The University of Detroit is hosting ‘Detroit Titans Legends and Traditions Weekend’ Sept. 21-22, with several former U of D greats returning to campus for a variety of activities. Here is the news release from the school:
The Titan tradition includes 104 seasons of basketball with 1,326 wins, 21 NBA/ABA draft picks, 17 All-American selections, 12 post-season appearances, three Horizon League Tournament Championships and two Horizon League Regular Season titles. Each Titan contributed to these accomplishments and deserves to be celebrated.
On Friday, September 21, the weekend tips off with a Titan Legends & Traditions Dinner that will benefit the Dave DeBusschere Scholarship Fund. The soiree will begin with a reception at 5:30 p.m. followed by a strolling dinner catered by Titan corporate partner Sodexo at 6:30 p.m. Along with the dinner; the night will feature a storytelling of Titan Tradition and also the presentation of the 2012 Horizon League Men’s Basketball Championship Rings. Cost is $100/person for this special event.
Saturday, September 22 will showcase the skills of the Titan Legends with a youth clinic and Legends basketball game. The youth clinic will take place beginning at noon with current Titan basketball players and the Legends conducting drills to prepare Detroit for more future legends. The clinic is FREE to youth. On Dick Vitale Court at Calihan Hall, former Titan men’s basketball players will then take the court to see who can still shoot, drive, and dunk with the Legends game beginning at 1:00 p.m. Fans will want to arrive early to grab their seats courtside to witness all of the skills the Titans!
I’ve actually interviewed and written about three U of D legends since this site launched in April. My story on Desmond Ferguson:
“I’ve never seen myself as just a jock or a basketball player and never wanted others to view me that way either,” Ferguson said. “I always knew that the actual playing of basketball on the professional level would really only be a small portion of my life, so that was never my only focus. I like to talk about education and things outside of basketball when I speak to the youth because more times than not, they will not be a professional athlete. Both my professional basketball and business experiences have allowed me to share many stories and lessons learned about life in general.”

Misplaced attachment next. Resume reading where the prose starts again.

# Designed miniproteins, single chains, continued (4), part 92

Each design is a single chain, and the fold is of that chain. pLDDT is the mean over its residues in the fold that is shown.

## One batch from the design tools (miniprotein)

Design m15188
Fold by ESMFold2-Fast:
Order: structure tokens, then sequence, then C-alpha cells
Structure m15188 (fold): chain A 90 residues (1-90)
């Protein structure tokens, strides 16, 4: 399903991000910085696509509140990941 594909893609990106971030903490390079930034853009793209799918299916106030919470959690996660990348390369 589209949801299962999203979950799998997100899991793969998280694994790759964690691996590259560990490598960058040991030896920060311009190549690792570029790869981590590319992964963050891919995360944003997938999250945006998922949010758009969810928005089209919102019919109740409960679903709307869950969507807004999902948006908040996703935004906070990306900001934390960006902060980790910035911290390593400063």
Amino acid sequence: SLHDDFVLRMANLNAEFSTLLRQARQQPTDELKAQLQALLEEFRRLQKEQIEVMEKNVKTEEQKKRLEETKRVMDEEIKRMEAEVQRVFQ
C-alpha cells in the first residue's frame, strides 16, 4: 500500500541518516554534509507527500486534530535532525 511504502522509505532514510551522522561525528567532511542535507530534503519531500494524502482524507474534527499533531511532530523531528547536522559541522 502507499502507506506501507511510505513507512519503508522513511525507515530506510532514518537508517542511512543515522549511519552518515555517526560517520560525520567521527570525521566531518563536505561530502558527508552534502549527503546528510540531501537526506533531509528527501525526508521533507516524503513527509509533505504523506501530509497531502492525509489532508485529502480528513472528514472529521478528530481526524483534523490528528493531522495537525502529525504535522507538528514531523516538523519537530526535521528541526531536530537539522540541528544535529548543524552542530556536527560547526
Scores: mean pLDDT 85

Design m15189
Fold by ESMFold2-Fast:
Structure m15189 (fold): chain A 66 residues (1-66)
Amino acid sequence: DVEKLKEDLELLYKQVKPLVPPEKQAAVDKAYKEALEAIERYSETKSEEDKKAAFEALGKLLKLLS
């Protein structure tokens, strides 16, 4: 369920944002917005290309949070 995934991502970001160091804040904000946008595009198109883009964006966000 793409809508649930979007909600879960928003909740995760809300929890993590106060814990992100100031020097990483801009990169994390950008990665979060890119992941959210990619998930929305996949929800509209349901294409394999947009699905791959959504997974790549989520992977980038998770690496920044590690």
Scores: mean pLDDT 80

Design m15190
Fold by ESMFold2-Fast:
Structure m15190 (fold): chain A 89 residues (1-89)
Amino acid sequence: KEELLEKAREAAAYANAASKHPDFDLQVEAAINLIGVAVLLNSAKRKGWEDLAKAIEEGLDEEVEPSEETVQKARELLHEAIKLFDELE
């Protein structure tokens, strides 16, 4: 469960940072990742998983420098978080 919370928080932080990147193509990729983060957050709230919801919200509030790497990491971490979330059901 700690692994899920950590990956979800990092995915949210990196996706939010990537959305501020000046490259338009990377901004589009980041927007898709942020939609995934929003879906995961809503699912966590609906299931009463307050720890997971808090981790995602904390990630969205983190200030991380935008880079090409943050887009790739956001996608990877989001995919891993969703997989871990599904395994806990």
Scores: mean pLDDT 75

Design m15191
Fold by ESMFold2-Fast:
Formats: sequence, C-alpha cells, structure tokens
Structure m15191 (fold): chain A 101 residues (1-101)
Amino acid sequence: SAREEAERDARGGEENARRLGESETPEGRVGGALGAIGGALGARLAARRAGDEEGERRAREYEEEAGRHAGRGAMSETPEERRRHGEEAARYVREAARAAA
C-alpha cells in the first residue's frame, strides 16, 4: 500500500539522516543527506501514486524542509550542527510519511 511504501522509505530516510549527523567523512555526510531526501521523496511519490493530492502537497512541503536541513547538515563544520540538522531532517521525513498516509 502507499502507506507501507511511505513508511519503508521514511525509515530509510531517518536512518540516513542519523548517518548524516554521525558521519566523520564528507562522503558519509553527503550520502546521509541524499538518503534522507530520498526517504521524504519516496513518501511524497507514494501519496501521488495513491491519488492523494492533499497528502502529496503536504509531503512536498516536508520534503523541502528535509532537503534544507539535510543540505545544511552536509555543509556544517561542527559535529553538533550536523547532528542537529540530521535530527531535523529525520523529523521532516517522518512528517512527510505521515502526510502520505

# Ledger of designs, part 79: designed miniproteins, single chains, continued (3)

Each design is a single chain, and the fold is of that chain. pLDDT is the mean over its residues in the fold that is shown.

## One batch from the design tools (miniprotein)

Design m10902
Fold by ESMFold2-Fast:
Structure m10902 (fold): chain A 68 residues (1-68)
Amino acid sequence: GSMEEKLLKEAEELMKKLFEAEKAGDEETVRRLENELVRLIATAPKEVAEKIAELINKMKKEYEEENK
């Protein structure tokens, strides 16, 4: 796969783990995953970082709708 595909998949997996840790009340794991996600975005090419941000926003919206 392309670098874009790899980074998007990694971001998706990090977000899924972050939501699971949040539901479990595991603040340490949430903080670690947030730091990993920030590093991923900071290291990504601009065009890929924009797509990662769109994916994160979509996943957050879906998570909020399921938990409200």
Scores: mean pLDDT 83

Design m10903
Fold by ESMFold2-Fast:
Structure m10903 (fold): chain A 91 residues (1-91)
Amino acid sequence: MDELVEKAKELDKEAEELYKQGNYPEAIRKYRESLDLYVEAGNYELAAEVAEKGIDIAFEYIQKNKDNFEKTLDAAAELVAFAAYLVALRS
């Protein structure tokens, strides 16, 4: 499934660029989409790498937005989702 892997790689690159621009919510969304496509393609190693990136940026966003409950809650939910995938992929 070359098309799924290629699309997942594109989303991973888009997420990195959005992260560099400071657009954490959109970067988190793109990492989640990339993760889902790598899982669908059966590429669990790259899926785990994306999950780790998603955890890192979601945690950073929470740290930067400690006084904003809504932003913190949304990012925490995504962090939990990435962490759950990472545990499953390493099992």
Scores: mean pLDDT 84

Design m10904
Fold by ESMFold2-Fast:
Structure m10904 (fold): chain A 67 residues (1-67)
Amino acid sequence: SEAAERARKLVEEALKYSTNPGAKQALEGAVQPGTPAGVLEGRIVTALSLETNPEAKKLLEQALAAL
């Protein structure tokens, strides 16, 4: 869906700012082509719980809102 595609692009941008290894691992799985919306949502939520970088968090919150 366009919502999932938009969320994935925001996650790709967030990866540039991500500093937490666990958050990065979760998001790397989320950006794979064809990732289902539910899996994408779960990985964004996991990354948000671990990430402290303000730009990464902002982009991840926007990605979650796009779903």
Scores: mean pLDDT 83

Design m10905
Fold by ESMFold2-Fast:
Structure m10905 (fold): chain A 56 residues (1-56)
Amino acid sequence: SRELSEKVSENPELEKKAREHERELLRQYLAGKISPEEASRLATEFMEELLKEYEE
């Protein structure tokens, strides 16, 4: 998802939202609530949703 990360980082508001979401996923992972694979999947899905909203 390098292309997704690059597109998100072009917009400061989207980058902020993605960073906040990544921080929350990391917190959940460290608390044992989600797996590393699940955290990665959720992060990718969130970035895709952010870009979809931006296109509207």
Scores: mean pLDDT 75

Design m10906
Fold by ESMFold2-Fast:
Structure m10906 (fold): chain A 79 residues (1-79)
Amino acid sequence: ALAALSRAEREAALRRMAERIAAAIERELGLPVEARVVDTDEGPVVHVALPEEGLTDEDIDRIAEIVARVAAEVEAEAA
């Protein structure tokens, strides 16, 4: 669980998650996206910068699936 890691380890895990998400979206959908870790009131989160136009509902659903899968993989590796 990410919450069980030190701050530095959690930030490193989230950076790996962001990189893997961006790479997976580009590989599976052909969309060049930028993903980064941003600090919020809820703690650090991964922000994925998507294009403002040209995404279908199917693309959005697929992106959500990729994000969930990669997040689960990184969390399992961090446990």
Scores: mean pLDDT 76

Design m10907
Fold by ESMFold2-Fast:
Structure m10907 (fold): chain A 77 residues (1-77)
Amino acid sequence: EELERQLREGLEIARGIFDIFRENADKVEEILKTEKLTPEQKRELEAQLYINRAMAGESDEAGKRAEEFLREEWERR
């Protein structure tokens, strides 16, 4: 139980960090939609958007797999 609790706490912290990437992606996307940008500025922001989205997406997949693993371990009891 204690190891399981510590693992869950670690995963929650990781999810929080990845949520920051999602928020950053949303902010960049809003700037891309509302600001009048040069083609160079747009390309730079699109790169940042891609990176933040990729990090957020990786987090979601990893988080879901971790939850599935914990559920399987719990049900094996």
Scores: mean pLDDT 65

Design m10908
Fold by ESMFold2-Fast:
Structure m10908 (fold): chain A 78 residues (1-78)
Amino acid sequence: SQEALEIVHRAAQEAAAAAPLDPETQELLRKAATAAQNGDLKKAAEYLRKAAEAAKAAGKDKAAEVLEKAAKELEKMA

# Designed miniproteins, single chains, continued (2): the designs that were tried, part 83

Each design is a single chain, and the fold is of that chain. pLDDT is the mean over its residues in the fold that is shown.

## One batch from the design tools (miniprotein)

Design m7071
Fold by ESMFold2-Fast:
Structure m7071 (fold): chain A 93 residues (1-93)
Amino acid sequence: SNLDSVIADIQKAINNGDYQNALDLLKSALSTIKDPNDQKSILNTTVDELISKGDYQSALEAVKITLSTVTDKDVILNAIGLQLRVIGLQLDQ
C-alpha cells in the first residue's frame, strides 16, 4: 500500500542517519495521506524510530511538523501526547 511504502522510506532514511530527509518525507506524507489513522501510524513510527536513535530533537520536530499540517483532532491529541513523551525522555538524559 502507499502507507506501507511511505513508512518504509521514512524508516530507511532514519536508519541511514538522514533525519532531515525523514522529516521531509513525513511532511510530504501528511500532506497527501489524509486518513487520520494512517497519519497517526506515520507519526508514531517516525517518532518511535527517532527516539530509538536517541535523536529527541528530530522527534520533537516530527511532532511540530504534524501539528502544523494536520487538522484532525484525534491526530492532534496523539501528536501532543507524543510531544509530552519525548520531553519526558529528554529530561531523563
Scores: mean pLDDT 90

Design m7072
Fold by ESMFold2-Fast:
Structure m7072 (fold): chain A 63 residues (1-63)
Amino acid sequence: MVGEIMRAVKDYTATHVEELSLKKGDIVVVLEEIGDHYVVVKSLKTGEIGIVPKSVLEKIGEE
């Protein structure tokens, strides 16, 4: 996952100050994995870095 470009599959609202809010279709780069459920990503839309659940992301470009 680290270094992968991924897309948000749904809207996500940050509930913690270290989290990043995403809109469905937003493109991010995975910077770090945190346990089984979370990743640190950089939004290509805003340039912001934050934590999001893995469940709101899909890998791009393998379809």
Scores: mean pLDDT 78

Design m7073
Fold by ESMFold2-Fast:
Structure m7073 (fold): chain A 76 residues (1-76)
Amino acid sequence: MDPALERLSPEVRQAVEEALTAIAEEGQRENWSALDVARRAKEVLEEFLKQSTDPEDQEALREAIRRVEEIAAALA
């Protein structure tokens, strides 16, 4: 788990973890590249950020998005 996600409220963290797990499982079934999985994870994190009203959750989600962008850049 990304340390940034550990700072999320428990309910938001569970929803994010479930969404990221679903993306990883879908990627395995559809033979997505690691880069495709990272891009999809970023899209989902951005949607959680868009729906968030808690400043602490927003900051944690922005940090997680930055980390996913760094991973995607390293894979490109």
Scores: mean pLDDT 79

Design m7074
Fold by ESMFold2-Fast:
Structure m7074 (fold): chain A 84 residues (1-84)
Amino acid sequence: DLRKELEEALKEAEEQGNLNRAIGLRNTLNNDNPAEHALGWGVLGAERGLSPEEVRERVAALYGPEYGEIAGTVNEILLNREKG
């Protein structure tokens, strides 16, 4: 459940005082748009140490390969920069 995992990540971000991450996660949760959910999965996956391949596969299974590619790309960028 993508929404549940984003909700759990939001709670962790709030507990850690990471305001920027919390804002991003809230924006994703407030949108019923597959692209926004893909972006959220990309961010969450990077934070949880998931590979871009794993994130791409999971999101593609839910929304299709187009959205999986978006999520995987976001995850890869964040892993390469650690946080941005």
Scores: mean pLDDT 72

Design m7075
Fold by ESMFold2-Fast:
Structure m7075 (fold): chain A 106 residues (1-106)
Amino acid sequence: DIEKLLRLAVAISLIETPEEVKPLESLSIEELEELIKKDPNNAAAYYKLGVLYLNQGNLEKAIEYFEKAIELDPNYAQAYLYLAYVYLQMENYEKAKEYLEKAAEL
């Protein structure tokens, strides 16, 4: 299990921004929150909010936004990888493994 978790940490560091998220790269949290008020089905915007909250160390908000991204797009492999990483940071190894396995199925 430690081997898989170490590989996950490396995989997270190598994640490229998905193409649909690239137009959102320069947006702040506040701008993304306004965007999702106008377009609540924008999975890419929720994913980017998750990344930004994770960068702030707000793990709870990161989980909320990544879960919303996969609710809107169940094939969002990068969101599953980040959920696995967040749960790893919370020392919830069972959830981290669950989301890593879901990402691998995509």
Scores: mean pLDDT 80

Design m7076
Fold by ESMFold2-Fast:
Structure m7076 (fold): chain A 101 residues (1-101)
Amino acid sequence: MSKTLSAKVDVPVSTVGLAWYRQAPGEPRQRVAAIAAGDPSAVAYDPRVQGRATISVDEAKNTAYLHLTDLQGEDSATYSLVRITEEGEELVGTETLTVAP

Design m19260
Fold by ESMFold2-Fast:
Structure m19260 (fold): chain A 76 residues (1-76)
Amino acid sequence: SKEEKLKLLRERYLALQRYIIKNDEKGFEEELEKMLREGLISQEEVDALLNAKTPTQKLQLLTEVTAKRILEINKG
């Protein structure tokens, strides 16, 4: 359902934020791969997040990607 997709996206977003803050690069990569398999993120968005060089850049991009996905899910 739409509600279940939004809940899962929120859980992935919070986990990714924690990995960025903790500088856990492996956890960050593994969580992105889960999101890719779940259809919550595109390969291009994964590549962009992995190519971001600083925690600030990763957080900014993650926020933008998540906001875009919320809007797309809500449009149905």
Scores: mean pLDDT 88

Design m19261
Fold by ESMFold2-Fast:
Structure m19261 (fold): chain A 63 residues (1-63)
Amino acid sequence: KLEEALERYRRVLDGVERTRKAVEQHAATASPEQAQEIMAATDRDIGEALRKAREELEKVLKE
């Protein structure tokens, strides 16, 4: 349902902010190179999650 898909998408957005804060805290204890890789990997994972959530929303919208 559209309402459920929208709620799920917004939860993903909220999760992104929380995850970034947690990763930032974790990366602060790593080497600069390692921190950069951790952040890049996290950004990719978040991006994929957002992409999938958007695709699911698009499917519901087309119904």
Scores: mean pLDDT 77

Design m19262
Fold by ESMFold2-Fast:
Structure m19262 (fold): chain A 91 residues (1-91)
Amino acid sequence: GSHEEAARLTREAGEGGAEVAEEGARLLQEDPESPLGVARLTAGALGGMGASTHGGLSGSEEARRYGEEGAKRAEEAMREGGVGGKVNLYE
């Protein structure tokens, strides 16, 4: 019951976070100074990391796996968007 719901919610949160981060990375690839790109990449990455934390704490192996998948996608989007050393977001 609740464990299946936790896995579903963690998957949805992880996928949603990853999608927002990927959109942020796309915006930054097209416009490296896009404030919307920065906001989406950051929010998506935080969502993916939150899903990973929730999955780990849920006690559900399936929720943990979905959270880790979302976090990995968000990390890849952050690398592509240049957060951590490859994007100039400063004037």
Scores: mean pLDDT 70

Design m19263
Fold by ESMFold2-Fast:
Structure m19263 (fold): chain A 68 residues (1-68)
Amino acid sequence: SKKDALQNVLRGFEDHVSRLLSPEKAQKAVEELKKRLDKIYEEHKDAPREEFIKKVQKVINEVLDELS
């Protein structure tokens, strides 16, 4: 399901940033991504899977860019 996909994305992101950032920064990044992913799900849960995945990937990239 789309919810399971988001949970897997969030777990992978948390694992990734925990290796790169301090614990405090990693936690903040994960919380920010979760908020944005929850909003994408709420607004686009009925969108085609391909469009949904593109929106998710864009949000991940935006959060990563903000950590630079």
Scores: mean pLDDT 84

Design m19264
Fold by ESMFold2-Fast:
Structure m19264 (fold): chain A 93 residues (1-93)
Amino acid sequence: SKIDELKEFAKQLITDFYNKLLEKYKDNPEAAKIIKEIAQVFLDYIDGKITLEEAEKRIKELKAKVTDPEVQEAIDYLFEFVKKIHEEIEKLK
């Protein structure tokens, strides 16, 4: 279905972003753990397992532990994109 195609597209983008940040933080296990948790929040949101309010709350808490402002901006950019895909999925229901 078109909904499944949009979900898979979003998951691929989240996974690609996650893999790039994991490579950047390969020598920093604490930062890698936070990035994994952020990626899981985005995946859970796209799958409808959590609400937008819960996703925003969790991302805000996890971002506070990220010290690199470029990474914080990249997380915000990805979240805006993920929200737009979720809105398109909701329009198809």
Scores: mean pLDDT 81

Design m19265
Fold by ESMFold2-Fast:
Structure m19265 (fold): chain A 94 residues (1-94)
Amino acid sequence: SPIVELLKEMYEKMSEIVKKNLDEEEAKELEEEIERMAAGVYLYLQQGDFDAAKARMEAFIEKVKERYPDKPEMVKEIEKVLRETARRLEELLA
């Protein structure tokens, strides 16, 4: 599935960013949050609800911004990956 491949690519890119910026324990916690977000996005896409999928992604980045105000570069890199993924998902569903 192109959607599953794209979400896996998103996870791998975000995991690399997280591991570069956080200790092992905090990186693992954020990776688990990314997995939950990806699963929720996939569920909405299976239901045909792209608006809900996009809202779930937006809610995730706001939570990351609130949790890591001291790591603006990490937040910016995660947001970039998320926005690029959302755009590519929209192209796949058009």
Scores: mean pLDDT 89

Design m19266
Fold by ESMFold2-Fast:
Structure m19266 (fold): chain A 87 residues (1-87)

“At first, I was like, ‘Hell no! He (Perry Watson) won’t even let me play my game,’” Jackson said. “I had to run the offense, I had to play defense, I had to set up shots for others. I was like, ‘I’m trying to get some shots for myself!.’ And everything was my fault — if Rashad Phillips was shooting too much or if Desmond Ferguson or Bacari Alexander were missing shots, it was my fault! In reality, coach Watson was probably the greatest thing that happened to me as a basketball player. He was teaching me the responsibilities of being a point guard and floor general. If you’re a point guard, you’re responsible for everything that goes right or wrong on the court. You control everything. Coach Watson is a true definition of a coach and father figure. He taught me how to be a father.”
“When I was playing overseas, I had a lot of down time, a lot of long flights and a lot of time to reflect on life,” he said. “I grew up on the East Side of Detroit where there were high rates of crime, failure, death. I came out of that and I’m the opposite of that environment. I would really like to chronicle my life and hopefully help motivate other people who are in that situation and share my story with them to give them hope that it is possible to get out.”